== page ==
Though before going on, it’s relevant to note that the idea of the relation has-a-meaning as a 2-term relation between a shape and a meaning has problems. It will (hopefully) be improved upon shortly. For the moment it’s perfectly adequate to regard the human semantic, or meaningful, use of linguistic symbols as that of having the ability to get from shapes (such as those in text books) to their meanings.
State of mind
“The behaviour of the [human] computer at any moment is determined by the symbols which he is observing, and his ‘state of mind’ at that moment.”
Here, “state of mind” is usually regarded as referring to how the human computer could react to the shapes of the observed symbols, and is typically thought to comprise a set of conditionals of the form: if the observed symbol shape is such-and-such then do so-and-so.
Such a “state of mind” would not necessarily involve accessing the meanings of the shapes, but would rather involve simply executing causal sequences of the form: if the observed shape is “X” then do so-and-so. In the human case, however, meanings would presumably be accessed when the human observes a symbol. We would expect that observing a symbol would involve activating the meaning of its shape, if known.
The relation has-a-meaning (again)
Now there’s a potentially more accurate way to understand the relation has-a-meaning. Rather than construing it as (some sort of weird) connection between (somehow) a shape and a meaning, what about the following idea. The core relation is between the inner representation of a shape (a neural structure) and a meaning (also a neural structure). On this idea, the connection is no longer mysterious but consists of neural fibers joining two neural structures.
This seems an interesting idea. The symbol the human computer manipulates (creates, deletes, identifies, moves) is external to the brain and inscribed on a piece of paper. Both the symbol and the inner neural structure that represents the symbol’s shape, have shapes. BUT, and this is what seems really interesting, only the shape of the external symbol has a meaning. No meaning has been assigned to the wildly filamentous inner structure, which in any case is probably unique to the individual. So the shapes in text book have meanings, but their neural “representations” don’t. And since a symbol is a shape with a meaning, the neural representations are not symbols.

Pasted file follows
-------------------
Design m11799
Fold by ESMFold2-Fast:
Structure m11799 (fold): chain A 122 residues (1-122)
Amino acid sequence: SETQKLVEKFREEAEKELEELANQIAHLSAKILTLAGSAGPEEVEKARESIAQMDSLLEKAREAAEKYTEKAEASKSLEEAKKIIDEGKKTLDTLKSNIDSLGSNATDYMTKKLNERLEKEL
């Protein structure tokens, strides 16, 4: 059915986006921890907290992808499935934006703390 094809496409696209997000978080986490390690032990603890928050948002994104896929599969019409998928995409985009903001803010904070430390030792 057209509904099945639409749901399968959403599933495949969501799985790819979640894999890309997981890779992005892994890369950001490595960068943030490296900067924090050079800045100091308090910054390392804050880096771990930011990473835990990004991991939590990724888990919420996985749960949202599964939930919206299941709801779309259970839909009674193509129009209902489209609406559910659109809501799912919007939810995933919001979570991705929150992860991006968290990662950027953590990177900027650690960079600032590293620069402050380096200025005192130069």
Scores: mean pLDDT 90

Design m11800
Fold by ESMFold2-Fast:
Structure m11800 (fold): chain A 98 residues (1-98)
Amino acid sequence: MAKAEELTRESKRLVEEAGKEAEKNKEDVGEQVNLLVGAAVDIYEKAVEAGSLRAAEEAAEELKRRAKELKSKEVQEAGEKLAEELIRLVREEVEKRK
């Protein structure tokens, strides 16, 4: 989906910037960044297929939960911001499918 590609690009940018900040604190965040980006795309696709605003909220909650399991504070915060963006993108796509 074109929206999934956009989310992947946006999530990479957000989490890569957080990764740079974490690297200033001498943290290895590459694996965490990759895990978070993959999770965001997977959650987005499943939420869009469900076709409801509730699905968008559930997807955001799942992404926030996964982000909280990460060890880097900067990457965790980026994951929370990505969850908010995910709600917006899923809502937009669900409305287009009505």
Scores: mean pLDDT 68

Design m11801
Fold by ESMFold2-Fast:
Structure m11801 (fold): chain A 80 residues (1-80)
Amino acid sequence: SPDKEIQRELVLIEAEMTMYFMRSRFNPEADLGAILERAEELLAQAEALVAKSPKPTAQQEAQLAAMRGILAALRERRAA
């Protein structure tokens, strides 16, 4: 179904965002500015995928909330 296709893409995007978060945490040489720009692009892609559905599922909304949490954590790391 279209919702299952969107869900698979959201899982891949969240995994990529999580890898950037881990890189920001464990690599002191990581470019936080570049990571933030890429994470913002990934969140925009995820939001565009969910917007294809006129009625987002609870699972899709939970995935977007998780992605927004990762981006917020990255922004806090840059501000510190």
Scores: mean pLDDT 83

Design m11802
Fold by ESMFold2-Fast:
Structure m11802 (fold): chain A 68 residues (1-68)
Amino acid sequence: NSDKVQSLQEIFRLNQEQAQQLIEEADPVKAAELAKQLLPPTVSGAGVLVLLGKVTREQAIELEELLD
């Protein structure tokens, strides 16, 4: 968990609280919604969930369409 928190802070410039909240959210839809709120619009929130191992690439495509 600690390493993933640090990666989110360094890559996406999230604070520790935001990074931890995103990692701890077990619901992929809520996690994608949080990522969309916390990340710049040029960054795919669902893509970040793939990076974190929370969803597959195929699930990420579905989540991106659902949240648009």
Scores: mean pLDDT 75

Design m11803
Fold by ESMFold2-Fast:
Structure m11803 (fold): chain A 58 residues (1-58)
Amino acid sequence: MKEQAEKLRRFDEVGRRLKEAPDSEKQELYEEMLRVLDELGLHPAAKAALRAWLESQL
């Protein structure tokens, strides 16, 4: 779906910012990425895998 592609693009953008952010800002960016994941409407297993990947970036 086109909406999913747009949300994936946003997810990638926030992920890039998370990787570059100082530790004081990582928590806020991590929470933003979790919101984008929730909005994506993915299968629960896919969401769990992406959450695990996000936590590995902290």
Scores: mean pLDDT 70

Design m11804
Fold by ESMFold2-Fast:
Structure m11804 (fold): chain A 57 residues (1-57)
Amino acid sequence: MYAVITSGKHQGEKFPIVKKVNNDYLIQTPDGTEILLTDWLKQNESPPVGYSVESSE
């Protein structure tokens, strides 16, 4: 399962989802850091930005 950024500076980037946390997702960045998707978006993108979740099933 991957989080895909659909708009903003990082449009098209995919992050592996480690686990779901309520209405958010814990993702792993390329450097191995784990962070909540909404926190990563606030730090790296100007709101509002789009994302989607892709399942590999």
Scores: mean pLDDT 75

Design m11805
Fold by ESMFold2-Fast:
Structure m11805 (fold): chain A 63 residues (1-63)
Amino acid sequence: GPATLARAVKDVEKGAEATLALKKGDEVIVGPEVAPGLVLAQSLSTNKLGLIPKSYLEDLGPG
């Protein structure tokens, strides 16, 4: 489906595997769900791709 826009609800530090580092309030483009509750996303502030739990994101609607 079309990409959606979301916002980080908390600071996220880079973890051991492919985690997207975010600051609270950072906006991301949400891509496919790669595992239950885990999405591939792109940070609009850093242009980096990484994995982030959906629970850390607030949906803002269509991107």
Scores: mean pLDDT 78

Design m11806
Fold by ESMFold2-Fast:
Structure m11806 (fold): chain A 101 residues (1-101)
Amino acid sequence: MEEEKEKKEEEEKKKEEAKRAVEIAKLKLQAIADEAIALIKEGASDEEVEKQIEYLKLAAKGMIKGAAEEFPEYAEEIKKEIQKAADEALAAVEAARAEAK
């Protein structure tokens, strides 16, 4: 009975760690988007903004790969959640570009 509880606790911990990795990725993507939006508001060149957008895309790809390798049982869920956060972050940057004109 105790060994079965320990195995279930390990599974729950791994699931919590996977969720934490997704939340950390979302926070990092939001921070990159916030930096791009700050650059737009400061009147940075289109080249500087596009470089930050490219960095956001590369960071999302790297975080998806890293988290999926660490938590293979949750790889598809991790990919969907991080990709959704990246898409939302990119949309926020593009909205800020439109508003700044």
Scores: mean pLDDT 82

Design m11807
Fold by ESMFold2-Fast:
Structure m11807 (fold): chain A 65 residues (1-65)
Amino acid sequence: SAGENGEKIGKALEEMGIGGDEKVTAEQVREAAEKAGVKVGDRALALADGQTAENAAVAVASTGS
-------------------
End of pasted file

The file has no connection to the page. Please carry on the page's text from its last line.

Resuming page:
I think most people would agree that the shapes of neural structures have not been assigned meanings in the sense that shapes of symbols in books have. Given that human brains comprise neural structures, this seems to be saying that there are no symbols stored inside human brains.
Now returning to Turing’s idea of state of mind. It seems that while a human’s state of mind (including inner neural representations of observed symbol shapes) determines the behavior of the human performing a computation with pen and paper, there are no symbols stored in that organic cellular state of mind. It’s entirely non-symbolic.
Of course it almost goes without saying (but I specially need to say it) that such symbols as the human computer writes on paper are external to the human brain and observed via sense perception. What enters the brain is the proceeds, as we say in patent claim lingo, of the sensory apparatus, not the ink on the paper.
To review, humans when computing with pen and paper manipulate (create, delete, identify, move) objects called linguistic symbols. The shapes of these have been assigned meanings by a person or community. The term “symbol” can be used to refer either to particular such objects, called tokens, or abstractly to their shapes.
Linguistic symbols are explained by saying that their shapes are related to meanings by conventional assignment. What happens during human computing with pen and paper is that a symbol token is observed, this sensory process activates an internal representation of the shape, and this inner representation structure is neurally connected to a meaning, also a neural structure.
Meaning and denotation, or reference
On this scheme of things, the reference, or denotation, of a shape is distinguished from its meaning. The meaning is internal, the denotation is typically external. For example, fictional reference. How could the term “unicorn” have a meaning when there are no such things as unicorns? This question is said to confuse denotation with meaning. The meaning of the shape “unicorn” is an assemblage of neural structures (the ideas of bloated pony, tapering barely-twist horn, etc.). So “unicorn” does have a meaning. But it has no reference. (Assuming there are in fact no such things as unicorns existing independently of people’s ideas of them.)
Much more could be said about this endlessly fascinating subject. But the idea is to get some notion of the concept of the symbol as Turing used it in 1936 when introducing his Turing machine design when he said:
“Computing is normally done by [a human] writing certain symbols on paper…”
The Turing machine
Turing then continues:
“We may now construct a machine to do the work of this [human] computer…”